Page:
Fantasy is a genre that is enjoyed across all identities. Young people like fantasy, and older people like fantasy. Women like fantasy, men like fantasy and non-binary people like fantasy. Straight people like fantasy, and members of the LGBTQ+ community like fantasy. Folks of all races and ethnicities like fantasy. 

But while the readership audience for the genre is quite diverse, it is commonly noted amongst readers and critics alike that the books themselves are shockingly not. 

If you wandered your way into a book shop this very afternoon, you could throw a penny and probably hit at least five fantasy books with a straight, white, cis-male protagonist, most likely written by an equally straight, cis, white author. 

One of the biggest examples of this is J.K. Rowling, who not only writes in a cisnormative, heternormative, whitewashed way, but most recently has been actively claiming her transphobia on social media and through her newest publications. 

While the genre has a lot of growing to do, and arguably the most successful author is the face of it, it doesn’t mean that we need to cancel fantasy altogether. 

Many major booksellers, in fact, have taken to providing their customers with more thoughtful alternatives to giving Rowling anymore of our hard-earned money. So, if you love fantasy but can’t stand the way that Rowling and authors similar to her shape the characters and subjects within the genre, here are four books to jumpstart your journey to diversifying your mystical, magical bookshelf.

“Pet” by Akwaeke Emezi:

In this YA novel, a young trans girl named Jam is utterly adored and comfortable in her environment. She loves her family and the city she lives in, Lucille, which is seeped in the black culture of its citizens and where she feels safe and comfortable.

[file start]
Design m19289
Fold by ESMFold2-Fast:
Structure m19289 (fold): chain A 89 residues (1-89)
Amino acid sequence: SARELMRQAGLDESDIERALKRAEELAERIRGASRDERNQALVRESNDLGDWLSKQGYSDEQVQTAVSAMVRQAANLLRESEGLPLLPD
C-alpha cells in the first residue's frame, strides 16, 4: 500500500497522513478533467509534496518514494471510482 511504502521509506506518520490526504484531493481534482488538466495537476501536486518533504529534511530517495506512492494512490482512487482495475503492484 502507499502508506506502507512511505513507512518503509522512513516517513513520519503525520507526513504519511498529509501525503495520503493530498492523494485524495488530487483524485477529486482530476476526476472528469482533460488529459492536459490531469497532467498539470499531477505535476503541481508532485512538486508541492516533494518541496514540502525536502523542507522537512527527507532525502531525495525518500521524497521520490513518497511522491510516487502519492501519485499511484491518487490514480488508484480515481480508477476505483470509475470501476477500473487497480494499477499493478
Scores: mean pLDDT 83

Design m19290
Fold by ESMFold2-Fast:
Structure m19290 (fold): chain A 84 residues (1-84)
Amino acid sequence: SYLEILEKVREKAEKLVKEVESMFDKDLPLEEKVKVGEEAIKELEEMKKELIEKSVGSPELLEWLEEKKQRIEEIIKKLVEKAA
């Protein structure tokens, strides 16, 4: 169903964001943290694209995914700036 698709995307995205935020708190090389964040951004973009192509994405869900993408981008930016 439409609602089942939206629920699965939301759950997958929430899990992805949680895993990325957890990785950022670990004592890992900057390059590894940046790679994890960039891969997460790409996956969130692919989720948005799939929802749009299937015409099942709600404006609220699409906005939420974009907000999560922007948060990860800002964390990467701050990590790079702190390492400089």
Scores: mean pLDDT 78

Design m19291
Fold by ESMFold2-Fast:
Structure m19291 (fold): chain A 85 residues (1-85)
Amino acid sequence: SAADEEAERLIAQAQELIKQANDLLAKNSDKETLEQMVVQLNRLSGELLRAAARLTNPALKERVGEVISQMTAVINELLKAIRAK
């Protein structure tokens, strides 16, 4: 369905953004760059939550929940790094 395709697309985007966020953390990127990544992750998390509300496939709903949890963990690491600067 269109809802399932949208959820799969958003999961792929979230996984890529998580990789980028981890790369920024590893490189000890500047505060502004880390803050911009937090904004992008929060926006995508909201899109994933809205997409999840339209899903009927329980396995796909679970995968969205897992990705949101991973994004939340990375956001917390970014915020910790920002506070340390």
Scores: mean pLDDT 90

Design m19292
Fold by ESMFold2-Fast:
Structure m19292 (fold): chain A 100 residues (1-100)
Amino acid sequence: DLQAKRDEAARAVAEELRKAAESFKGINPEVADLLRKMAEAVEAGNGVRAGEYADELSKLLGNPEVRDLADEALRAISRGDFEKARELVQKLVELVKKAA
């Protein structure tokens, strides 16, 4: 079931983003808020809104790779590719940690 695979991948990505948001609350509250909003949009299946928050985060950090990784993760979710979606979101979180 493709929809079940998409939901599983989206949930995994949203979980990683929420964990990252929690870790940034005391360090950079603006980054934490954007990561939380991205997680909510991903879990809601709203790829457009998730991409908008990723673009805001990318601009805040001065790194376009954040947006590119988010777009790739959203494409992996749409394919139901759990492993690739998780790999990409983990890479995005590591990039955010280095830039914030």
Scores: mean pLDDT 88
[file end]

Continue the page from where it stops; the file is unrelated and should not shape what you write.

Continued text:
The monsters that once roamed the city have been taken care of by the angels. Exactly what happens when good takes on evil. However, sometimes things are a little bit more complex than that.

Jam meets a monster named Pet, a creature who looks quite vicious but proceeds to strike up a loving friendship with Jam. With Pet by her side, the two of them set out to hunt down the “real” monsters that are apparently still hiding in Lucille. 

“The Night Tiger” by Yangsze Choo

Set in Malaysia in the 1930’s under the rule of the British colonies, “The Night Tiger” follows the perspectives of Ji Lin and Ren, two young folks trying to find their way and their place in the world as their stories intertwine. Ji Lin, an aspiring student, and Ren, a doctor’s houseboy, both have their share of obstacles to overcome while trying to make their dreams a reality. 

Along the way, their paths are littered with death, mourning, secrets, ghosts and even a potentially supernatural tiger who may be following them around.

Told while using folklore rooted in Malaysian and Chinese culture, the story weaves a magical tale rooted in very real issues of colonialism and family duty. 

“Carry On” by Rainbow Rowell

Described by as “about as close as you can get to Harry Potter without a copyright infringement,” “Carry On,” based on a fanfiction from her bestseller, “Fangirl,” tells the story of two LGBTQ+ characters who attend a school of magic.

Without calling J.K. Rowling out directly, Rowell gave fans of Harry Potter and similar series what they had been lacking all of this time, non-heteronormative romance and representation in general.

In a realm of magic and mystery, Simon and his roommate, Baz, have to navigate what it means to be “the chosen one” when you don’t feel you can live up to everyone’s expectations. All the while dodging monsters and ghosts. 

“Children of Blood and Bone” by Tomi Adeyemi

In Zelie’s world, things were once happy. Things made sense and were safe. The land of Orisha, where she lives, was bursting with magic, as were the people. 

That was until other groups began their attempt to destroy everything Zelig and her people love and cherish. 

After the death of her beloved mother, and the ruin of hope for her community, Zelie must outrun the power and spirits who seek to obliterate everything for good.

While this tale might look like just an expertly written piece of Nigerian fantasy folklore, Adeyemi wrote this story as a direct allegory to the murder of innocent black folks at the hands of American police, making it all the more of an important read.

Ali Kochik is a third-year English Writing major with minors in Journalism and Women’s and Gender Studies. AK908461@WCUPA.EDU

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